As the final whistle was blown, the Sky Sports cameras captured Dermot and John-Stephen, two of the more thirsty members of our travelling party, making a dash across the pitch in an attempt to get back to Teague’s before the rest of the travelling support. Not being completely without manners however, the pair did pause briefly to say well done to their clubmate John Hayes.
At the game.
“Fair play to you Bull, you did us proud,” they shouted over their shoulders while galloping towards the front gate, showing a better turn of pace than most of the Gloucester backline on the day.
The rest of us arrived not long afterwards to find the celebrations already in full swing, with a lone guitarist right down in the back of the pub taking requests from the giddy audience. I stopped counting how many times the poor musician was forced to play ‘The Fields of Athenry’ but the repeat renditions carried on well into the night.
Pied Piper, and the Musician.....
We trundled into East Midlands at 7.30 on Monday morning to meet Gary, who had kindly agreed to collect the camper from us at the airport instead of at his base in Derby.
Using whatever socks or boxer shorts we could find lying around, we had wiped down the inside of the camper on the way to the airport and had it looking surprisingly clean by the time we arrived.
Just as we were about to hand over the keys to Gary, I realised that we had forgotten to carry out the most horrendous part of the clean-up, namely emptying the toilet. Leaving that little present for Gary to dispose of was not an option as it would mean us incurring an £80 fine on our deposit.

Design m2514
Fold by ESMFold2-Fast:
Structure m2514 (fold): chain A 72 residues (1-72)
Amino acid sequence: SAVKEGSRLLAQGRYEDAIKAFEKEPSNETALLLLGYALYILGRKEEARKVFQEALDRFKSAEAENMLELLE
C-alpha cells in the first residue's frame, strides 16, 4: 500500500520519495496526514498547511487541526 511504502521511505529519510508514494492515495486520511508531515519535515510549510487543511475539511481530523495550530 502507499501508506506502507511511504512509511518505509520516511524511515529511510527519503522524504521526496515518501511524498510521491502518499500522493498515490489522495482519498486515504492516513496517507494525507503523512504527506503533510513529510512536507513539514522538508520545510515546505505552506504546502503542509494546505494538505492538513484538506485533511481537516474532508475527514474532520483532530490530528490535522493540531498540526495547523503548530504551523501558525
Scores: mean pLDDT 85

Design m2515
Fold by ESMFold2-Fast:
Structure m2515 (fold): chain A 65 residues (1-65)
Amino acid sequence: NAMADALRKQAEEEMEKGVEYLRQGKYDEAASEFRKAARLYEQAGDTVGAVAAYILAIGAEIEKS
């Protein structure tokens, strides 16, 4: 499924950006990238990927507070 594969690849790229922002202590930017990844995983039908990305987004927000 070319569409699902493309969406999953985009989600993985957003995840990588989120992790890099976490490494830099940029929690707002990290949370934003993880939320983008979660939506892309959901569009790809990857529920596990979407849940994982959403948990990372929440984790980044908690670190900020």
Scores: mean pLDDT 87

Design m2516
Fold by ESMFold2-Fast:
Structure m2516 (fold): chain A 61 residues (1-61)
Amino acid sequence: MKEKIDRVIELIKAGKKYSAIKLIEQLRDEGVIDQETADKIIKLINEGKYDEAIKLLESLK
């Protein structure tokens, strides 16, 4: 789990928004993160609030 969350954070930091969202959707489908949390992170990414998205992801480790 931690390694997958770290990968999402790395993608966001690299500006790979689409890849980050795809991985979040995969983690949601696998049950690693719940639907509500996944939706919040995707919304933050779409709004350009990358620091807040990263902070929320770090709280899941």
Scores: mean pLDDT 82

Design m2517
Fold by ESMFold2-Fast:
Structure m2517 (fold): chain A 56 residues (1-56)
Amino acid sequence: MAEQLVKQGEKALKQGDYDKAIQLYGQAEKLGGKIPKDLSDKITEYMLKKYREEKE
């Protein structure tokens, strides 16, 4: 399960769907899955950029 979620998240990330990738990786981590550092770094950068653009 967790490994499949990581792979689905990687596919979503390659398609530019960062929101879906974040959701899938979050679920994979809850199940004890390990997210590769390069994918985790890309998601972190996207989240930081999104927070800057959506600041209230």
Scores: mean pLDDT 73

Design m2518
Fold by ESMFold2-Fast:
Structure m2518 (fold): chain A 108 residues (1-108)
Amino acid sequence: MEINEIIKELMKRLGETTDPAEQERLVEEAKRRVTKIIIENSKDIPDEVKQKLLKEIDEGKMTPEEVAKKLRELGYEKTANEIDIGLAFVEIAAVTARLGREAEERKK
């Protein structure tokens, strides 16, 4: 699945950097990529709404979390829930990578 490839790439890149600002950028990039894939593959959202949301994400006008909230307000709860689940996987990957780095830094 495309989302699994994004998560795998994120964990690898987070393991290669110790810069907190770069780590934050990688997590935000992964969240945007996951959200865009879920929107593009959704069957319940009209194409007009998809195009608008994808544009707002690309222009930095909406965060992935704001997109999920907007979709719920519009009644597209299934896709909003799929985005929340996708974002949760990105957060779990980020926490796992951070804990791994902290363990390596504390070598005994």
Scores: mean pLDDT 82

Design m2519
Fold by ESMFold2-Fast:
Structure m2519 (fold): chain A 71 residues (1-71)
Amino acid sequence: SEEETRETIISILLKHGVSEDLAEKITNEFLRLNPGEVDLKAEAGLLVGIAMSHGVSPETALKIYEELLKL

So through a process of bullying and intimidation, I was selected as the candidate to dispose of the collection potty which was located at the back of the van.
Praying that nobody was watching from one of the overhead planes, I found one of the more deserted waste ground areas on the outskirts of the airport and disposed of our foul cargo while my friends fell about themselves laughing.
With that last vomitous act completed we bade our farewells to Gary, who seemed genuinely shocked to see the campervan -and all of us – back in one piece.
To a man, we fell asleep within minutes of boarding the plane, collectively feeling the wear and tear of the weekend as if we ourselves had spent all day Saturday tackling Lesley Vainikolo.
However, we fell asleep with smiles on our faces, content in the knowledge that while the weary bones and scraggly heads would last a few days, the memories of another great Heineken Cup weekend would be around a lot longer.